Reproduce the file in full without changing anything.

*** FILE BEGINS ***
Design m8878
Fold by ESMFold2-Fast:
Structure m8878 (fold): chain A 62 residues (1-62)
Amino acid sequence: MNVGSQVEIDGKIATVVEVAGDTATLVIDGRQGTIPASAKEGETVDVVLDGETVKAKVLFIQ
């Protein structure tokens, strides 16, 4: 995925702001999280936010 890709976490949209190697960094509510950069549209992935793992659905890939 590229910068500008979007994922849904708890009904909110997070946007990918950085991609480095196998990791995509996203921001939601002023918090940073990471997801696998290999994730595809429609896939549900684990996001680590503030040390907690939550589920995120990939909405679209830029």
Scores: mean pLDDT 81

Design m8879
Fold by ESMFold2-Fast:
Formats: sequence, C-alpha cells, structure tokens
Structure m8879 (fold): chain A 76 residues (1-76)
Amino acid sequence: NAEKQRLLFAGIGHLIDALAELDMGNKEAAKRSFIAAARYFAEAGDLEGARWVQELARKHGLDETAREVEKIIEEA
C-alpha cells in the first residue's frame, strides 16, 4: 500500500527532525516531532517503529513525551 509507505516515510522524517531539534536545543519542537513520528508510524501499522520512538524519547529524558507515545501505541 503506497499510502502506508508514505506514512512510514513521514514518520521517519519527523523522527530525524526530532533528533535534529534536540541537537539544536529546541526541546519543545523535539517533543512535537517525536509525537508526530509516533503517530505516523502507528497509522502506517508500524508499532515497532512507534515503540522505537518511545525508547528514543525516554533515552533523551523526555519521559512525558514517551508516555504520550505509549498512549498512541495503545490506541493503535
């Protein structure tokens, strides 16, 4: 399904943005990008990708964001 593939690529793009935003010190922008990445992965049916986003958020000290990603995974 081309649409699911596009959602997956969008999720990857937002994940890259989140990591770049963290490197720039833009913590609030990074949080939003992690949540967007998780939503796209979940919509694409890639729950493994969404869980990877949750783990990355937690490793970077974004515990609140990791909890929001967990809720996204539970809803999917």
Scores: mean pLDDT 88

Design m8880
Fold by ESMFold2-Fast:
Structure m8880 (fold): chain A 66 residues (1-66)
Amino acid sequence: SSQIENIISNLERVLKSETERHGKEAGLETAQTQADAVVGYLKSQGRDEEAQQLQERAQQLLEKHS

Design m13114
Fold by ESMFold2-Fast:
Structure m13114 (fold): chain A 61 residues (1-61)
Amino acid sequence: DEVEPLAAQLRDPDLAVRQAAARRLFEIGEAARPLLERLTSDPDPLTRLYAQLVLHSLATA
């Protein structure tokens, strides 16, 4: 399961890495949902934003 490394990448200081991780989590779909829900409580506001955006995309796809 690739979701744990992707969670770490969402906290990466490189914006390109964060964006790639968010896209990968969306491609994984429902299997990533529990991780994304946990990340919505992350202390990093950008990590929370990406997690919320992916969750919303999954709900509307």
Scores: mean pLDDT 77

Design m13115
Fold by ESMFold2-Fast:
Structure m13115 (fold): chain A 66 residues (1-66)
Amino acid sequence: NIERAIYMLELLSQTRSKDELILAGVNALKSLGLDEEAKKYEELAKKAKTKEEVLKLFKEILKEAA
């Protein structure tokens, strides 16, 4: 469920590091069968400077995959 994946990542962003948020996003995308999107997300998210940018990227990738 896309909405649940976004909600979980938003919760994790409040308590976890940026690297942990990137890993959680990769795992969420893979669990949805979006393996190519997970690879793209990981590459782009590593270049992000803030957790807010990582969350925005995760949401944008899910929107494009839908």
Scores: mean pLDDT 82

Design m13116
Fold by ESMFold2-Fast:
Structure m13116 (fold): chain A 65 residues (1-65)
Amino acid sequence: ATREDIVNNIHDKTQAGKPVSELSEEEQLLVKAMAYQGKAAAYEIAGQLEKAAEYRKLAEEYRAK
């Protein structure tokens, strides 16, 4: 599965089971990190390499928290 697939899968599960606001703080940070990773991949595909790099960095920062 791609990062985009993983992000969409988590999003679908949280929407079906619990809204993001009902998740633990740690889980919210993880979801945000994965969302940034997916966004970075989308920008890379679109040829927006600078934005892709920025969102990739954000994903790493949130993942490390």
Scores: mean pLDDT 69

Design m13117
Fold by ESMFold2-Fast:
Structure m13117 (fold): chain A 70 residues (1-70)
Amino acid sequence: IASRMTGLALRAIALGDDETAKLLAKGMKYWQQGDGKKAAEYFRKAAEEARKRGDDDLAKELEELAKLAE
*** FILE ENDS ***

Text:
Design m8878
Fold by ESMFold2-Fast:
Structure m8878 (fold): chain A 62 residues (1-62)
Amino acid sequence: MNVGSQVEIDGKIATVVEVAGDTATLVIDGRQGTIPASAKEGETVDVVLDGETVKAKVLFIQ
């Protein structure tokens, strides 16, 4: 995925702001999280936010 890709976490949209190697960094509510950069549209992935793992659905890939 590229910068500008979007994922849904708890009904909110997070946007990918950085991609480095196998990791995509996203921001939601002023918090940073990471997801696998290999994730595809429609896939549900684990996001680590503030040390907690939550589920995120990939909405679209830029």
Scores: mean pLDDT 81

Design m8879
Fold by ESMFold2-Fast:
Formats: sequence, C-alpha cells, structure tokens
Structure m8879 (fold): chain A 76 residues (1-76)
Amino acid sequence: NAEKQRLLFAGIGHLIDALAELDMGNKEAAKRSFIAAARYFAEAGDLEGARWVQELARKHGLDETAREVEKIIEEA
C-alpha cells in the first residue's frame, strides 16, 4: 500500500527532525516531532517503529513525551 509507505516515510522524517531539534536545543519542537513520528508510524501499522520512538524519547529524558507515545501505541 503506497499510502502506508508514505506514512512510514513521514514518520521517519519527523523522527530525524526530532533528533535534529534536540541537537539544536529546541526541546519543545523535539517533543512535537517525536509525537508526530509516533503517530505516523502507528497509522502506517508500524508499532515497532512507534515503540522505537518511545525508547528514543525516554533515552533523551523526555519521559512525558514517551508516555504520550505509549498512549498512541495503545490506541493503535
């Protein structure tokens, strides 16, 4: 399904943005990008990708964001 593939690529793009935003010190922008990445992965049916986003958020000290990603995974 081309649409699911596009959602997956969008999720990857937002994940890259989140990591770049963290490197720039833009913590609030990074949080939003992690949540967007998780939503796209979940919509694409890639729950493994969404869980990877949750783990990355937690490793970077974004515990609140990791909890929001967990809720996204539970809803999917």
Scores: mean pLDDT 88

Design m8880
Fold by ESMFold2-Fast:
Structure m8880 (fold): chain A 66 residues (1-66)
Amino acid sequence: SSQIENIISNLERVLKSETERHGKEAGLETAQTQADAVVGYLKSQGRDEEAQQLQERAQQLLEKHS

Design m13114
Fold by ESMFold2-Fast:
Structure m13114 (fold): chain A 61 residues (1-61)
Amino acid sequence: DEVEPLAAQLRDPDLAVRQAAARRLFEIGEAARPLLERLTSDPDPLTRLYAQLVLHSLATA
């Protein structure tokens, strides 16, 4: 399961890495949902934003 490394990448200081991780989590779909829900409580506001955006995309796809 690739979701744990992707969670770490969402906290990466490189914006390109964060964006790639968010896209990968969306491609994984429902299997990533529990991780994304946990990340919505992350202390990093950008990590929370990406997690919320992916969750919303999954709900509307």
Scores: mean pLDDT 77

Design m13115
Fold by ESMFold2-Fast:
Structure m13115 (fold): chain A 66 residues (1-66)
Amino acid sequence: NIERAIYMLELLSQTRSKDELILAGVNALKSLGLDEEAKKYEELAKKAKTKEEVLKLFKEILKEAA
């Protein structure tokens, strides 16, 4: 469920590091069968400077995959 994946990542962003948020996003995308999107997300998210940018990227990738 896309909405649940976004909600979980938003919760994790409040308590976890940026690297942990990137890993959680990769795992969420893979669990949805979006393996190519997970690879793209990981590459782009590593270049992000803030957790807010990582969350925005995760949401944008899910929107494009839908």
Scores: mean pLDDT 82

Design m13116
Fold by ESMFold2-Fast:
Structure m13116 (fold): chain A 65 residues (1-65)
Amino acid sequence: ATREDIVNNIHDKTQAGKPVSELSEEEQLLVKAMAYQGKAAAYEIAGQLEKAAEYRKLAEEYRAK
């Protein structure tokens, strides 16, 4: 599965089971990190390499928290 697939899968599960606001703080940070990773991949595909790099960095920062 791609990062985009993983992000969409988590999003679908949280929407079906619990809204993001009902998740633990740690889980919210993880979801945000994965969302940034997916966004970075989308920008890379679109040829927006600078934005892709920025969102990739954000994903790493949130993942490390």
Scores: mean pLDDT 69

Design m13117
Fold by ESMFold2-Fast:
Structure m13117 (fold): chain A 70 residues (1-70)
Amino acid sequence: IASRMTGLALRAIALGDDETAKLLAKGMKYWQQGDGKKAAEYFRKAAEEARKRGDDDLAKELEELAKLAE